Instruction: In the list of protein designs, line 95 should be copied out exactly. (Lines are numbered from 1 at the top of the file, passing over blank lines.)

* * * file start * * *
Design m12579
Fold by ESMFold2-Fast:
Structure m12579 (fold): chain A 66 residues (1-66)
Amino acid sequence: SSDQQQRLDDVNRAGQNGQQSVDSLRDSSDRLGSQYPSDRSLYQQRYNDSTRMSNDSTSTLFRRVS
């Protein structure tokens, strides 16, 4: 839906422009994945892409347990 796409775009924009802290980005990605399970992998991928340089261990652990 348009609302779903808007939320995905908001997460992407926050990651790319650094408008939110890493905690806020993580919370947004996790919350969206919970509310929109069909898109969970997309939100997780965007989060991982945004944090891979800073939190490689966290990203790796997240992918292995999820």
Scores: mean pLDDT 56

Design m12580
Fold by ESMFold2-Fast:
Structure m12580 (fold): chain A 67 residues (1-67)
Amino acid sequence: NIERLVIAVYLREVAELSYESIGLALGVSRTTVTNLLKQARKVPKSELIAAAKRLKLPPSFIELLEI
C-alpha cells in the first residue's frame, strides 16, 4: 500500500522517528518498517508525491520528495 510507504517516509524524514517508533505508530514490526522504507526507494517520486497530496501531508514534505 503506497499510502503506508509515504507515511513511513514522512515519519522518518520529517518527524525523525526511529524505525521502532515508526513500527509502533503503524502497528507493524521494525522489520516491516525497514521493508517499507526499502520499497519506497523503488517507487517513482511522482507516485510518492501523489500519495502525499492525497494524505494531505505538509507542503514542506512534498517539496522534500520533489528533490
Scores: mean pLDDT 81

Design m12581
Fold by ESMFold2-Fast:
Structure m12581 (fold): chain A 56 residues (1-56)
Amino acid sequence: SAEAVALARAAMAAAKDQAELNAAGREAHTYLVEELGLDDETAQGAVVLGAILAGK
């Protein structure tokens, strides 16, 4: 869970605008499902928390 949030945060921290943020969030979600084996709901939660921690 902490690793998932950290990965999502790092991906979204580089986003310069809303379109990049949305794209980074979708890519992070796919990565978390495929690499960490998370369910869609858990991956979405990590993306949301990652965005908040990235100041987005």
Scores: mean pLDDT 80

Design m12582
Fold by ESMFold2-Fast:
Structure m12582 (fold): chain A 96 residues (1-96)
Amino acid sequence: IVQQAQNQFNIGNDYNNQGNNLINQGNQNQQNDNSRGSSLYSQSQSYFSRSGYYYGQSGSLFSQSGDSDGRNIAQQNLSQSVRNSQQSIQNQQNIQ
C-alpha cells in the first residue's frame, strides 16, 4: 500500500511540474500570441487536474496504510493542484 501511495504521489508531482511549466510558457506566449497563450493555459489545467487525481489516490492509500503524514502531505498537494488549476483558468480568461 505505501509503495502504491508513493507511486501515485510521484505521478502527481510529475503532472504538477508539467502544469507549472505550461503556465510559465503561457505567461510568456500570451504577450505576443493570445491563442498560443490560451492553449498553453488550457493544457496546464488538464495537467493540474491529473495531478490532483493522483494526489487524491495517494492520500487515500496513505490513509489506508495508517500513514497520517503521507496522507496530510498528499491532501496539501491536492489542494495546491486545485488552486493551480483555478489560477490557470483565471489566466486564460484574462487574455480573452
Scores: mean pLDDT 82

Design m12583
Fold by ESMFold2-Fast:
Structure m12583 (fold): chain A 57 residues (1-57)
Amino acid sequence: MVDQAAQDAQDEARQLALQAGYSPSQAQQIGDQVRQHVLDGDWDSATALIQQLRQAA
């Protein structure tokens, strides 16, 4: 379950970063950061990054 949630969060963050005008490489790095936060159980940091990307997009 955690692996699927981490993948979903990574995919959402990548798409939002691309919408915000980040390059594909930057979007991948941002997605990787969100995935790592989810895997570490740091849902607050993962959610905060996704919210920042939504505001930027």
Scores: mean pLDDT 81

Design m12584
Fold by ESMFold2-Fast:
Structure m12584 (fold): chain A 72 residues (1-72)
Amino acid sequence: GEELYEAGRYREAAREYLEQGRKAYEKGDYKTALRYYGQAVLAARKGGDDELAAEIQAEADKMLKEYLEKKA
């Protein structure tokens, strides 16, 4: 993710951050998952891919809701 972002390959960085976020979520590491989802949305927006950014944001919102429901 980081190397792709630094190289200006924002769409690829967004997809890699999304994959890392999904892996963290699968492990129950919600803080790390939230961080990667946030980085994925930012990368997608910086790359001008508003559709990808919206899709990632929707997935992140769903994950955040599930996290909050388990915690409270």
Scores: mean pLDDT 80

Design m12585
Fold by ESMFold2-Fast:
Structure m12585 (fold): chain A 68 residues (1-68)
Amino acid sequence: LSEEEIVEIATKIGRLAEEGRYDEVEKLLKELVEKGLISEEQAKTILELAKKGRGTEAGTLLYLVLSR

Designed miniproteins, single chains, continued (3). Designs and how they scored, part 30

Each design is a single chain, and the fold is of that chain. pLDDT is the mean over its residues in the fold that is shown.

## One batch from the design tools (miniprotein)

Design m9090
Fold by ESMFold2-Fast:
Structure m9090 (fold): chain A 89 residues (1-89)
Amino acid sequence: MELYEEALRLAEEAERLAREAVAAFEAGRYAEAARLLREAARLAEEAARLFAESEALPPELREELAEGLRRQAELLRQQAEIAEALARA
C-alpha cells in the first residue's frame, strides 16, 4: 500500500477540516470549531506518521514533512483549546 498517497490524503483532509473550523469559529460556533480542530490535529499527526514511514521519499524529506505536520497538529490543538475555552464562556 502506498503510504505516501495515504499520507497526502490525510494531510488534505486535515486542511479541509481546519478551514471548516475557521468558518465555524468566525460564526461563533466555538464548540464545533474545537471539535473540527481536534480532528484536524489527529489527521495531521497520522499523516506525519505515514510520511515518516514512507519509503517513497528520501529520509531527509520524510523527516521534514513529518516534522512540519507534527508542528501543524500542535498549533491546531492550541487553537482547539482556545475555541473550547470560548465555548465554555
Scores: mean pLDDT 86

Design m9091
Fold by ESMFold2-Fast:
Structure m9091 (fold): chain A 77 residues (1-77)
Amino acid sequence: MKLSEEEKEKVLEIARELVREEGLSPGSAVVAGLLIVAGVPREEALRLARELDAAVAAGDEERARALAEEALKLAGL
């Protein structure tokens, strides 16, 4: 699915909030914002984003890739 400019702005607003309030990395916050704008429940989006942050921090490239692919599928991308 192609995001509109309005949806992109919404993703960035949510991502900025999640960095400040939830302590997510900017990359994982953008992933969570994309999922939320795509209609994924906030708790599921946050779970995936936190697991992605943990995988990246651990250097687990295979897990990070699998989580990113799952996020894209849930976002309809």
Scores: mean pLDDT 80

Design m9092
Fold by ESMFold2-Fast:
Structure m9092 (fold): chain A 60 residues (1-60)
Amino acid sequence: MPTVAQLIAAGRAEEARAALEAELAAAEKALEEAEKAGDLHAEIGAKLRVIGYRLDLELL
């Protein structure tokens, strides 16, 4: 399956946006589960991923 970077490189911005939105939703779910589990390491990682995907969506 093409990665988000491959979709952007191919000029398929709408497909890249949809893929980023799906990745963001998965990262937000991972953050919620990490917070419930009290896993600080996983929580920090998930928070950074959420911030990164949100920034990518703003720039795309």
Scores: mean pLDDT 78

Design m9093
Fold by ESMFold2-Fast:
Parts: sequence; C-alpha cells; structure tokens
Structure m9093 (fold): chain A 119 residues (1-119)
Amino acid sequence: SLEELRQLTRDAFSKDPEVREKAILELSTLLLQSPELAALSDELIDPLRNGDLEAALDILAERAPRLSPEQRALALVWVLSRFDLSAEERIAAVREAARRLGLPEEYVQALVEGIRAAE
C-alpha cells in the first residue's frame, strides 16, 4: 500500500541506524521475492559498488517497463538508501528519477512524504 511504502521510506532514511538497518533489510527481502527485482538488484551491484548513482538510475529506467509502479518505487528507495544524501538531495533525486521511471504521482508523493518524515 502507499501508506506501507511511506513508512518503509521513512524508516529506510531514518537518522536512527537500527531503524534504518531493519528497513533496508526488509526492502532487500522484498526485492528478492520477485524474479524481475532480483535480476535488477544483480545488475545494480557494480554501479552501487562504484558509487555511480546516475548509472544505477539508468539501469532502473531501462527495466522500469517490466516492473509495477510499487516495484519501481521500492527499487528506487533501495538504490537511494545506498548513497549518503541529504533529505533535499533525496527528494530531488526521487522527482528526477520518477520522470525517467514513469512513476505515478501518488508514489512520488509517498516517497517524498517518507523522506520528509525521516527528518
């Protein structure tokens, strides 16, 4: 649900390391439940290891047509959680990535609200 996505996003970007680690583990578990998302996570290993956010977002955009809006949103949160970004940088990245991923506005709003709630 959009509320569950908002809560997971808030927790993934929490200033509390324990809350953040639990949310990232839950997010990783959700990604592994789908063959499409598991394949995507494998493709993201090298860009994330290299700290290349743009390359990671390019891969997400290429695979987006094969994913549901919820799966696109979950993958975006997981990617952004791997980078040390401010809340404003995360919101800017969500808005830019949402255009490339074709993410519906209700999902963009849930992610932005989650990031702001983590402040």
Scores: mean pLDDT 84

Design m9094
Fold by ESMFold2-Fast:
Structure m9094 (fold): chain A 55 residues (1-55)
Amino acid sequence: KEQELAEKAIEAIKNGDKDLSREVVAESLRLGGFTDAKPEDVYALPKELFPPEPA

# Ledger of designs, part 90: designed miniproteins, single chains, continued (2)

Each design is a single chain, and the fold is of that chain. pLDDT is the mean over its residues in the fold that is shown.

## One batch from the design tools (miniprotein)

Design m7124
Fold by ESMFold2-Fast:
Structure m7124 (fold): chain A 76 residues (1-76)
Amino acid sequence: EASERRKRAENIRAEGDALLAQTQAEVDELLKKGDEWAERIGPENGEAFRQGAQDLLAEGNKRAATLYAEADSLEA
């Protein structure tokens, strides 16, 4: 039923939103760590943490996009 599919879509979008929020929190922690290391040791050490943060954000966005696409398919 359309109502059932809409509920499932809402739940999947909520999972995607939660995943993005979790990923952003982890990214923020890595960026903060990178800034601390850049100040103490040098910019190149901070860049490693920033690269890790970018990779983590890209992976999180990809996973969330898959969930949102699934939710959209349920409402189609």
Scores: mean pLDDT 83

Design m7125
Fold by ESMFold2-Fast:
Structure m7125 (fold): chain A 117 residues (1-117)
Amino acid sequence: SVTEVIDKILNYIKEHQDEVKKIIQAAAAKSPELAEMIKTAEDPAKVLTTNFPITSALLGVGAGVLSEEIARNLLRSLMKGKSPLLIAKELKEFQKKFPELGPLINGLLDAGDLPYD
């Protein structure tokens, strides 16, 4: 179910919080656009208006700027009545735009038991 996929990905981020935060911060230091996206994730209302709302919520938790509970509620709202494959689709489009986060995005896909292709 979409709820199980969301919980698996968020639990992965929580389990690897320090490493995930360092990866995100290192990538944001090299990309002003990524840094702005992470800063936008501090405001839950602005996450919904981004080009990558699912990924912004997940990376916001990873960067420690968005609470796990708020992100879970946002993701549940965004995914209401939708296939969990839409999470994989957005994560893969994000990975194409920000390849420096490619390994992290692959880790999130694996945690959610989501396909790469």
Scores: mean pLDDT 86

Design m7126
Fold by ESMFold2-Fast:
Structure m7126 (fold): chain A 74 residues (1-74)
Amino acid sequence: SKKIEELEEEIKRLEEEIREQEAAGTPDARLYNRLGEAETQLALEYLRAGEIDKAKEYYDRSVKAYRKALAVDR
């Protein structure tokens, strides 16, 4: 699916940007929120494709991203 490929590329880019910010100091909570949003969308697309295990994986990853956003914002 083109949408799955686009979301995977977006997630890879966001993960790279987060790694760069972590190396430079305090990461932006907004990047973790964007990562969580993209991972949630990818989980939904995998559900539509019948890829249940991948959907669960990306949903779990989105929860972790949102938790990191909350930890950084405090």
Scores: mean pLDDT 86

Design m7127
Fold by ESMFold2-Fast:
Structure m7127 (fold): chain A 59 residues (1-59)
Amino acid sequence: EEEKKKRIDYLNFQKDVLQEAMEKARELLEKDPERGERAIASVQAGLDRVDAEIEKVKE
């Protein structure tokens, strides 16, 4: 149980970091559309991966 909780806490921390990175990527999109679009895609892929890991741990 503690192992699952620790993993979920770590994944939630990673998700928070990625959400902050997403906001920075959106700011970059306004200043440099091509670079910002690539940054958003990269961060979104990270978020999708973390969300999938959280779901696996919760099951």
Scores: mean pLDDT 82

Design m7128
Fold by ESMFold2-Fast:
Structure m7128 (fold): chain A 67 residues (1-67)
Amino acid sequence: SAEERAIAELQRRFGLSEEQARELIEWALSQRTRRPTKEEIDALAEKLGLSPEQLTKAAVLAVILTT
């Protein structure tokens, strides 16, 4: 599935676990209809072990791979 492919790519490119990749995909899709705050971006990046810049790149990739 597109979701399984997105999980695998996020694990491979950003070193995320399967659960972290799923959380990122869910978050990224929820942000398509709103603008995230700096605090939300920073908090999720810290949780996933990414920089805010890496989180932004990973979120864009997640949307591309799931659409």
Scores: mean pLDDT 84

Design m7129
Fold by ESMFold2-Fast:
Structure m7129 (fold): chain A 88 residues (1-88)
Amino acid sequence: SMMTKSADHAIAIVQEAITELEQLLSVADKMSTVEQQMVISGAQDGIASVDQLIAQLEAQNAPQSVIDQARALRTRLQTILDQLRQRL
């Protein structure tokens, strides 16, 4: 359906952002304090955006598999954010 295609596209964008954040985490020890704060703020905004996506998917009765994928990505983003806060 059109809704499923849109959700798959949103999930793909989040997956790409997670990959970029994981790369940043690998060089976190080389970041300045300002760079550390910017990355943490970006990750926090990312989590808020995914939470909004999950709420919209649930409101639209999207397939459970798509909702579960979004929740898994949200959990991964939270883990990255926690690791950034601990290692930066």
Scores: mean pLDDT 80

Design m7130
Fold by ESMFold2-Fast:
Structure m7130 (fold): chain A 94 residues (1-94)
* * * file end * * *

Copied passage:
Design m7127